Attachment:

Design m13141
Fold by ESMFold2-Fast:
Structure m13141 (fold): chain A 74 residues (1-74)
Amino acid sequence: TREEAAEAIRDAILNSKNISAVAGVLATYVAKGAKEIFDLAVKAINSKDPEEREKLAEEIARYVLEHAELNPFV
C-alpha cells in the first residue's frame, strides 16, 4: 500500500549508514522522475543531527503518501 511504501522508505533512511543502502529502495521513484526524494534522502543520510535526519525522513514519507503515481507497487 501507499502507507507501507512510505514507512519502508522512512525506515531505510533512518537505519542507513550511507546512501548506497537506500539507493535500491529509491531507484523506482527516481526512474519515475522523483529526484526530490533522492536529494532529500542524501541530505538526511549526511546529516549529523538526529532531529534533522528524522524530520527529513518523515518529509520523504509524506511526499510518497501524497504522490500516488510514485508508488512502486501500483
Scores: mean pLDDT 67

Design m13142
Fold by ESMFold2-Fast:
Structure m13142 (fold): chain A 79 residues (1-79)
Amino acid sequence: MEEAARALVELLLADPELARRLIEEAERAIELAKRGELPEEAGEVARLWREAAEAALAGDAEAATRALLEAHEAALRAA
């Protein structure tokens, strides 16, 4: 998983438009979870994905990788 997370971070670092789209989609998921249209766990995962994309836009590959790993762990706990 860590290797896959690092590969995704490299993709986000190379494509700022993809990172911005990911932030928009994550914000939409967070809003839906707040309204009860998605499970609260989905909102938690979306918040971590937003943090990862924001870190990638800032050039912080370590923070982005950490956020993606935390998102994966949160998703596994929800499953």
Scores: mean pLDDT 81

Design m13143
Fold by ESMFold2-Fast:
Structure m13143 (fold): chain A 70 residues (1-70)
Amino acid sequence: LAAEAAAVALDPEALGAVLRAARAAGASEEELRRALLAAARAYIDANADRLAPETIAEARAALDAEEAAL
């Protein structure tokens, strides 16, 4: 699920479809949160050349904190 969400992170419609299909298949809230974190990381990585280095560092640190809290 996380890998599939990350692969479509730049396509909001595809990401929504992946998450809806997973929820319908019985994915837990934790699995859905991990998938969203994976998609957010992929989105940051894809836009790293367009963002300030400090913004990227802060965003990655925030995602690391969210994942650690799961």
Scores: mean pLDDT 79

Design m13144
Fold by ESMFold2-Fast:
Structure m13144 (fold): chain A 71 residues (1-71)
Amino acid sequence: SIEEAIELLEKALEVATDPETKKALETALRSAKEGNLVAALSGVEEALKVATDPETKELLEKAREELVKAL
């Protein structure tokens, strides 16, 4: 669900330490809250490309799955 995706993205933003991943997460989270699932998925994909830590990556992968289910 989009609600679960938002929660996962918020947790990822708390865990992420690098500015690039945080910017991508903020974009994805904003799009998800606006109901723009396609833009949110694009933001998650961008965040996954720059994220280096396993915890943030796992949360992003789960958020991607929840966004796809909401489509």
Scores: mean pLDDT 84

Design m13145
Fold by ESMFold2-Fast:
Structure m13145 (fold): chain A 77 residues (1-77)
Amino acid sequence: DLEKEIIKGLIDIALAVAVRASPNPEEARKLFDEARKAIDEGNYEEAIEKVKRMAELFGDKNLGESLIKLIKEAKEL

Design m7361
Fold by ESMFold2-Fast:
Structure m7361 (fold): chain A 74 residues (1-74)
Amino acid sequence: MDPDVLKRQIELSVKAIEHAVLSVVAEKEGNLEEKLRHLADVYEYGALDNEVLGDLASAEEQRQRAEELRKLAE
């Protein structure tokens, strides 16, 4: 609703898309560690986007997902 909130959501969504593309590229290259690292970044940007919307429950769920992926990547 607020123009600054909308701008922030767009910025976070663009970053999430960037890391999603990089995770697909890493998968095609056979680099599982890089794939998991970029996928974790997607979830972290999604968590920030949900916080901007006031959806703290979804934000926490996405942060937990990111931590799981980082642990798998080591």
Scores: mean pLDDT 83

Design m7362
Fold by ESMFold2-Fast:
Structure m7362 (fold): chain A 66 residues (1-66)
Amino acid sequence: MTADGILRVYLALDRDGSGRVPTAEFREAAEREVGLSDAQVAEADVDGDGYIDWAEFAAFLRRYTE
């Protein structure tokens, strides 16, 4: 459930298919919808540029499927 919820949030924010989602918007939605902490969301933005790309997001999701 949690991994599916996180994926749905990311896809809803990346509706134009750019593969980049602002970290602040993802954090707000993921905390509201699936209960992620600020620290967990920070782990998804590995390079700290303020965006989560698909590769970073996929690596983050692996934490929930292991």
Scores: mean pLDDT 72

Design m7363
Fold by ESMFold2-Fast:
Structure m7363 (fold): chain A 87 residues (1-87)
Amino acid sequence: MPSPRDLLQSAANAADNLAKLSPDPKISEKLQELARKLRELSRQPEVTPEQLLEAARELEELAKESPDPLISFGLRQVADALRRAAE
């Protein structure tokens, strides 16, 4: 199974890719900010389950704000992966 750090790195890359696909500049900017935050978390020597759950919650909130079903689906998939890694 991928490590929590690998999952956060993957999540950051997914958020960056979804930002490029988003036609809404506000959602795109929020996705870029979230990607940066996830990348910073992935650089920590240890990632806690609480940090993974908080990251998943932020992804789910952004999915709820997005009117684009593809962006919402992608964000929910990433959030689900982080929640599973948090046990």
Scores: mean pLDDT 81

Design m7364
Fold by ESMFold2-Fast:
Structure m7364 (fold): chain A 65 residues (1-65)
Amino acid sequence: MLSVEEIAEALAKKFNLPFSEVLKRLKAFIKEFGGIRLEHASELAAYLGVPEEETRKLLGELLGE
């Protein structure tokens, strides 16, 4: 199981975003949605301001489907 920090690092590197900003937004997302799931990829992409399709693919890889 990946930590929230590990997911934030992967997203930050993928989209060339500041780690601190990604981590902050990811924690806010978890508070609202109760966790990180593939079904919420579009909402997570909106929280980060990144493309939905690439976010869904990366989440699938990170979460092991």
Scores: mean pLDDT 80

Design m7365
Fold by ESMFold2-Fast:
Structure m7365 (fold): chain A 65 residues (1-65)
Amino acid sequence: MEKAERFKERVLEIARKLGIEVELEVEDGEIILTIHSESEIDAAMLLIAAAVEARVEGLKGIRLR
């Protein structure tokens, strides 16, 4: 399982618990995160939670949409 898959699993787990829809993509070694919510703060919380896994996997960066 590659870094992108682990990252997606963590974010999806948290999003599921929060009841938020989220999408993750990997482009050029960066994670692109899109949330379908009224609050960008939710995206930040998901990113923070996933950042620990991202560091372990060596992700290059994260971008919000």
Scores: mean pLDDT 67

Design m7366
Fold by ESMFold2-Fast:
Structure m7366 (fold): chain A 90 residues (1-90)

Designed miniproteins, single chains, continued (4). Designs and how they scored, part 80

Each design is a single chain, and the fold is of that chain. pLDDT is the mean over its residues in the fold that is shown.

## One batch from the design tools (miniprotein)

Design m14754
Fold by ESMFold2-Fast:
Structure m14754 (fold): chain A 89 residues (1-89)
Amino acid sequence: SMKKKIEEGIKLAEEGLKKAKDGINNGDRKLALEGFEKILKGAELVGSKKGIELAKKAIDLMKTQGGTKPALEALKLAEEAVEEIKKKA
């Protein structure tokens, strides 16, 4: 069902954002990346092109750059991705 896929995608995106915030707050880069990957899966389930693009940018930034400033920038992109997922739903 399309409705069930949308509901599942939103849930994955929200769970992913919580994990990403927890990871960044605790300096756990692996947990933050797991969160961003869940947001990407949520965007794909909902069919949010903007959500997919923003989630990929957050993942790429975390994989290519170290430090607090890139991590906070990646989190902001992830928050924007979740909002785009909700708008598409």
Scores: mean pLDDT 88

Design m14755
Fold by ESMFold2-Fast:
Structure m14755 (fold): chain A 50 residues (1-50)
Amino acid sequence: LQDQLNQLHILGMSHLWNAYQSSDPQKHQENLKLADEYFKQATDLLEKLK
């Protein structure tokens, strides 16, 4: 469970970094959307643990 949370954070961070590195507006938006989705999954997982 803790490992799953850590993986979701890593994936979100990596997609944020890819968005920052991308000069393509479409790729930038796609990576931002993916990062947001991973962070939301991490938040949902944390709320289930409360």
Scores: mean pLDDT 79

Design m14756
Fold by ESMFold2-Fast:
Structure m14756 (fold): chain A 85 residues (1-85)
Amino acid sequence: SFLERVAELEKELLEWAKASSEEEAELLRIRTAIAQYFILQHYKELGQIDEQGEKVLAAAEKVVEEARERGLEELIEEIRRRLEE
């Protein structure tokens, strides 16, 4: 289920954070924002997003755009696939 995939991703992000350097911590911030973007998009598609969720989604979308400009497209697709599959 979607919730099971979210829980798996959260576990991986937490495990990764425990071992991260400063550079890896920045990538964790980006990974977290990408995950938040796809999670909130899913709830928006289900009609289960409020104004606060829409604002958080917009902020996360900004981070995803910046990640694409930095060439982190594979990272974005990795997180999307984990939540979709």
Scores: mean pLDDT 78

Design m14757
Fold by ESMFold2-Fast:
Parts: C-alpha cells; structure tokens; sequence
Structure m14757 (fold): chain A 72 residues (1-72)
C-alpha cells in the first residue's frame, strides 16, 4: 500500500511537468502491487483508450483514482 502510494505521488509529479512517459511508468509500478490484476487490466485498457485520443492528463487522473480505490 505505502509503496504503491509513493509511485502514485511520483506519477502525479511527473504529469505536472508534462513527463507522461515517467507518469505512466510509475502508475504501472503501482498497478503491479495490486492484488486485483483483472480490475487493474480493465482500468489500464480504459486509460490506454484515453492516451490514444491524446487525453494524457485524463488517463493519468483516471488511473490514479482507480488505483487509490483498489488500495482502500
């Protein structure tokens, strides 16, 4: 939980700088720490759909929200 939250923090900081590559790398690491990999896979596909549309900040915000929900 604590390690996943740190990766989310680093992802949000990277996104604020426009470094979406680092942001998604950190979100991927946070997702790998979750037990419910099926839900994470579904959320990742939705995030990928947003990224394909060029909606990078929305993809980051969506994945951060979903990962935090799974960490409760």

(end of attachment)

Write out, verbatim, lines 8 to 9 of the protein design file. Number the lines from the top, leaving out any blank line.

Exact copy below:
Fold by ESMFold2-Fast:
Structure m13142 (fold): chain A 79 residues (1-79)